by

Elery Hamilton-Smith

Many years ago, a small group of friends agreed that they were running the risk of not being able to find good ways of spending their weekends. They had virtually walked every feasible bushwalking route within a reasonable distance of Adelaide, and were looking for something new. All were involved in the Scout Movement, and in particular, the Rovers. They all agreed that there seemed to be two interesting possibilities: caving or scuba-diving. By the following week, they had discovered both the location of what seemed to be the nearest cave and the price of scuba equipment. The latter made it easy to decide that caving sounded just right.img0022

So, within the week, they made their first visit to what is now known as Corra-Lynn Cave. The group by then included Graham Chinner, David Pegum (who had some caving experience in N.S.W.), the late Cecil Giles, David Taylor, Noel Mollet and Elery Hamilton-Smith. Both Noel and Elery are life members of the Association, and Elery has continued his interest in caves to the present day. Such was the enthusiasm generated by that first weekend visit that several of the group went back for seven consecutive weekends !

Three other things happened at this time. One was the first visit led to the discovery of a number of mammalian sub-fossils. A skull was brought back, shown to scientists at the South Australian Museum, and this was the beginning of a continuing relationship between cavers and researchers. The second was that a number of the group met with Captain J. Maitland Thomson and this led to the resolve that a Nullarbor Expedition must be put on the agenda. Thirdly, a rapidly growing number of other people, both from within Scouting and otherwise, became interested. So that although for some time trips were organised either informally, or through the Rover Movement, it eventually became clear that a new organisation had to be formed.

So in 1955, a meeting was held at Scout Headquarters, attended by a number of interested cavers and others, including both Norman Tindale of the South Australian Museum and Dr. P.S. Hossfeld of the Geology Department of Adelaide University. It was decided that the Cave Exploration Group (South Australia) should be established, and an interim committee was appointed with Elery Hamilton-Smith as foundation president. Tindale, in particular, argued at this time for the importance of proper recording. - "exploration without documentation is nothing but idle curiosity!" This was an important step for the group in establishing a commitment to proper record-keeping.

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At the same time, preparations were already under way for the first Nullarbor expedition at Christmas 1955. Another important landmark came at Easter 1956. An expedition to Kelly Hill found itself severely hampered by dense regrowth following bushfire, and it was virtually impossible to determine the precise location of caves. Alan Hill, as trip leader, decided that a consecutive number would be marked on each cave as it was discovered and investigated. This proved valuable, so Hill later proposed and developed a scheme where every cave would be allocated a number consisting of a letter prefix to denote the area concerned and a consecutive number for each recorded cave. This was the beginning of what is now a well-established national system, since adopted by a number of other countries.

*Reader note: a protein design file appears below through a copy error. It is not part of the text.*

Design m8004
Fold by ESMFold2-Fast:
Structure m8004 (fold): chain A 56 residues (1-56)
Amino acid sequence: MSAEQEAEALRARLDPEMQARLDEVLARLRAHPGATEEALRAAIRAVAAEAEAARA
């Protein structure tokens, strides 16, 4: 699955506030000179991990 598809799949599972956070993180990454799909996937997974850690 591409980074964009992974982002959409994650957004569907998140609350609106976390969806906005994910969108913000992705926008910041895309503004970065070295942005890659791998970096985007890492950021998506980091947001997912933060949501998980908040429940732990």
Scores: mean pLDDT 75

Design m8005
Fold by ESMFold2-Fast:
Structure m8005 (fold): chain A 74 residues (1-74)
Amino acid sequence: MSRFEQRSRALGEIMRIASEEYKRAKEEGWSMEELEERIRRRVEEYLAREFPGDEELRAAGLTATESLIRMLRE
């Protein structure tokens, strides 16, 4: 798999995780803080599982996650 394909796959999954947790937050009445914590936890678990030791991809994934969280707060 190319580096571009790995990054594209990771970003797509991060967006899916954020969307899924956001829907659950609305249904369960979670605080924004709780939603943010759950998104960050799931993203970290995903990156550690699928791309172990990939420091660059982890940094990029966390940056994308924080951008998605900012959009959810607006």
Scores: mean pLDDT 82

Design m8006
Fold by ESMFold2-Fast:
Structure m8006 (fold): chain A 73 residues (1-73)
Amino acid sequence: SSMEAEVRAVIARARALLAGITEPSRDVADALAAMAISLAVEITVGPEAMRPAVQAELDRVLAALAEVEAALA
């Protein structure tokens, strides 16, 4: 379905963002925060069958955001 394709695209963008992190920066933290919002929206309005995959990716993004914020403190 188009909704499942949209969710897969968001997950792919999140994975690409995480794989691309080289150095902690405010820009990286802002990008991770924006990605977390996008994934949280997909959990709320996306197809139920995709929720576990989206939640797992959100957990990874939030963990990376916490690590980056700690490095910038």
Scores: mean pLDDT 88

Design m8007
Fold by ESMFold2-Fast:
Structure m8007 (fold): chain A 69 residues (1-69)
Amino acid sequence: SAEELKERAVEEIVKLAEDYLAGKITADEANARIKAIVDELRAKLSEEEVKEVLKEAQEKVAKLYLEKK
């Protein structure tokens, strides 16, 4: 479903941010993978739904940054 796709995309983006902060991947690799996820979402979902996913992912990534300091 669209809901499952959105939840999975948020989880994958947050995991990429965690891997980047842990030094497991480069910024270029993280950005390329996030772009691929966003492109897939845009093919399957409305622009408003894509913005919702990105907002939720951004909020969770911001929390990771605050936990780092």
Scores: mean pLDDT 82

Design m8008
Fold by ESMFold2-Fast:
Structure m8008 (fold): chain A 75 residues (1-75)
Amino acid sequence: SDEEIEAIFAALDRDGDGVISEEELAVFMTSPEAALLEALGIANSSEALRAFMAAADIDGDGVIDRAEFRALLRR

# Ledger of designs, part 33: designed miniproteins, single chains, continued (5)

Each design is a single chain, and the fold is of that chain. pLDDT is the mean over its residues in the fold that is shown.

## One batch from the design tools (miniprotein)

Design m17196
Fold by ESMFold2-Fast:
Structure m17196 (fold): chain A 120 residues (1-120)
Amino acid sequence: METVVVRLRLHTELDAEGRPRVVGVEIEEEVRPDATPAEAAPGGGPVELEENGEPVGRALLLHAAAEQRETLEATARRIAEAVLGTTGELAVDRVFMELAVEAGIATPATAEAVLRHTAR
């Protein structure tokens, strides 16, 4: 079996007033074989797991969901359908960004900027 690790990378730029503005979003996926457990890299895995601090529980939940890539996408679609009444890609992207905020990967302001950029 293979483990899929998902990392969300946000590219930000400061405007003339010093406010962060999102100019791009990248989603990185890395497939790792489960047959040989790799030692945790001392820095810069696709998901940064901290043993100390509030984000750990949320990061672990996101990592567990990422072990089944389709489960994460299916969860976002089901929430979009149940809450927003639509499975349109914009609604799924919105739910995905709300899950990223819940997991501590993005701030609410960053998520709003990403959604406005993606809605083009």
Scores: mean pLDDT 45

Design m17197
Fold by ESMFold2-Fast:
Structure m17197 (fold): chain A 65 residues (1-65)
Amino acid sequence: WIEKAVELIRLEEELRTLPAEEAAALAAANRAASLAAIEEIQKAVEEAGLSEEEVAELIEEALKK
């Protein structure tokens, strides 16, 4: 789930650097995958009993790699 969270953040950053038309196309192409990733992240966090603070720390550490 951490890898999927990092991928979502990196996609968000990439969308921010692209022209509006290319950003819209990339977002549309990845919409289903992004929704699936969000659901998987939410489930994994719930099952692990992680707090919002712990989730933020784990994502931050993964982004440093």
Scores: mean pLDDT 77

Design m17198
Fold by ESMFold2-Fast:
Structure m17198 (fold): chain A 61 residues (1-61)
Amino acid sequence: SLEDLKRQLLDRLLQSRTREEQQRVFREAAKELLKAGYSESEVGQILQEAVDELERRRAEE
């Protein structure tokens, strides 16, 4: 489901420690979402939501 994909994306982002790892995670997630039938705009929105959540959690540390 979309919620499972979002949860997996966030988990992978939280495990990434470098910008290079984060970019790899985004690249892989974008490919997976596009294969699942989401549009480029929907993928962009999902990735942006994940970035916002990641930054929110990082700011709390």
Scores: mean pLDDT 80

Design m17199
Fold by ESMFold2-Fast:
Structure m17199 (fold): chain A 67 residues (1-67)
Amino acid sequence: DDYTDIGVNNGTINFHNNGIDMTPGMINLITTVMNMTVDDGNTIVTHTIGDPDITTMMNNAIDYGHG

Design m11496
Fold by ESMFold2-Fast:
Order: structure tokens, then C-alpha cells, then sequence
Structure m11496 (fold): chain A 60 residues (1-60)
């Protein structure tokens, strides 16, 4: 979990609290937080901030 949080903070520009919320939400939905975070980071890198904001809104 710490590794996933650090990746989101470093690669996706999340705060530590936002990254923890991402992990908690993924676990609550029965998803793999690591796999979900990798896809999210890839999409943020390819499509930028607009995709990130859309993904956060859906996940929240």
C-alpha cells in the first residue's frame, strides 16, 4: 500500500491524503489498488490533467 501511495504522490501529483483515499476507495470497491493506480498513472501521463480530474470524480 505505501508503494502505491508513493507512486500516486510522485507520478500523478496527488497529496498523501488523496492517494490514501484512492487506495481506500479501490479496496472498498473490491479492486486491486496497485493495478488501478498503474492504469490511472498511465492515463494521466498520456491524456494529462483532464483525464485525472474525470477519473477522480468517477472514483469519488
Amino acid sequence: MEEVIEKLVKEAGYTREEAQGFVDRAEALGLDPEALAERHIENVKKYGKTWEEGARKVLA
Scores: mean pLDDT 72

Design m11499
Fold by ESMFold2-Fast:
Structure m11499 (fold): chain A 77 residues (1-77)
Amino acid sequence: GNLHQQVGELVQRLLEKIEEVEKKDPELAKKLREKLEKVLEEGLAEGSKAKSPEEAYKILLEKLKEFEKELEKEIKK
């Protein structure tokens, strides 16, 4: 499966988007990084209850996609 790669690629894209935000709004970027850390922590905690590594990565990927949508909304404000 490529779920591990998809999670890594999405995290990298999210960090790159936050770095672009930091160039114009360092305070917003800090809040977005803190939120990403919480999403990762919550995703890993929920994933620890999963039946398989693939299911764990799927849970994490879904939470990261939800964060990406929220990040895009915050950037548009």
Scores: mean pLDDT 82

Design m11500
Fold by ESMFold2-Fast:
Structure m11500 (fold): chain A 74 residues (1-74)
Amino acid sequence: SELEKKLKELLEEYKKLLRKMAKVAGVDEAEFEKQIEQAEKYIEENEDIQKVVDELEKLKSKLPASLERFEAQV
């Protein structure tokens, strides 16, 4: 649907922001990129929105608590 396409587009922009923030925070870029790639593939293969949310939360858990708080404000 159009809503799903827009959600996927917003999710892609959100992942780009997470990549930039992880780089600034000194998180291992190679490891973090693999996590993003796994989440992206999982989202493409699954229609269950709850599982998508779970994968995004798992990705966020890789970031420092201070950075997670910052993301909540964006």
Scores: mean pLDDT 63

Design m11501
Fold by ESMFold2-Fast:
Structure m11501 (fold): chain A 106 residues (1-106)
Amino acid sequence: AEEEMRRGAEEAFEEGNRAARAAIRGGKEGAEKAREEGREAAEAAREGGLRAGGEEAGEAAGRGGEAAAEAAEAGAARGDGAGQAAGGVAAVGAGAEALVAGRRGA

The group has continued to the present day with a strong commitment to not only real exploration but to detailed recording and mapping of caves, a close link with science, and a special interest in the remarkable features of the Nullarbor Plain. Some time later, a letter was received from the presidents of the two caving groups in Sydney, suggesting that an Australian Speleological Federation should be formed. The Adelaide group responded with an invitation to hold a foundation national conference in Adelaide at the end of 1956, with the additional lure of a major Nullarbor Expedition. This was accepted, and so 1956 passed rapidly with planning and organisation for both the conference and a Nullarbor expedition involving 62 cavers from throughout Australia. That expedition made a number of important discoveries, including the recognition of Aboriginal rock art and a workshop where tools had been produced from the chert boulders found in walls of the cave, both in Koonalda Cave. These two discoveries alone marked a major turning point in Australian archaeology and rock art studies.

First published in the CEGSA News Vol 43(1), Issue 169, February 1998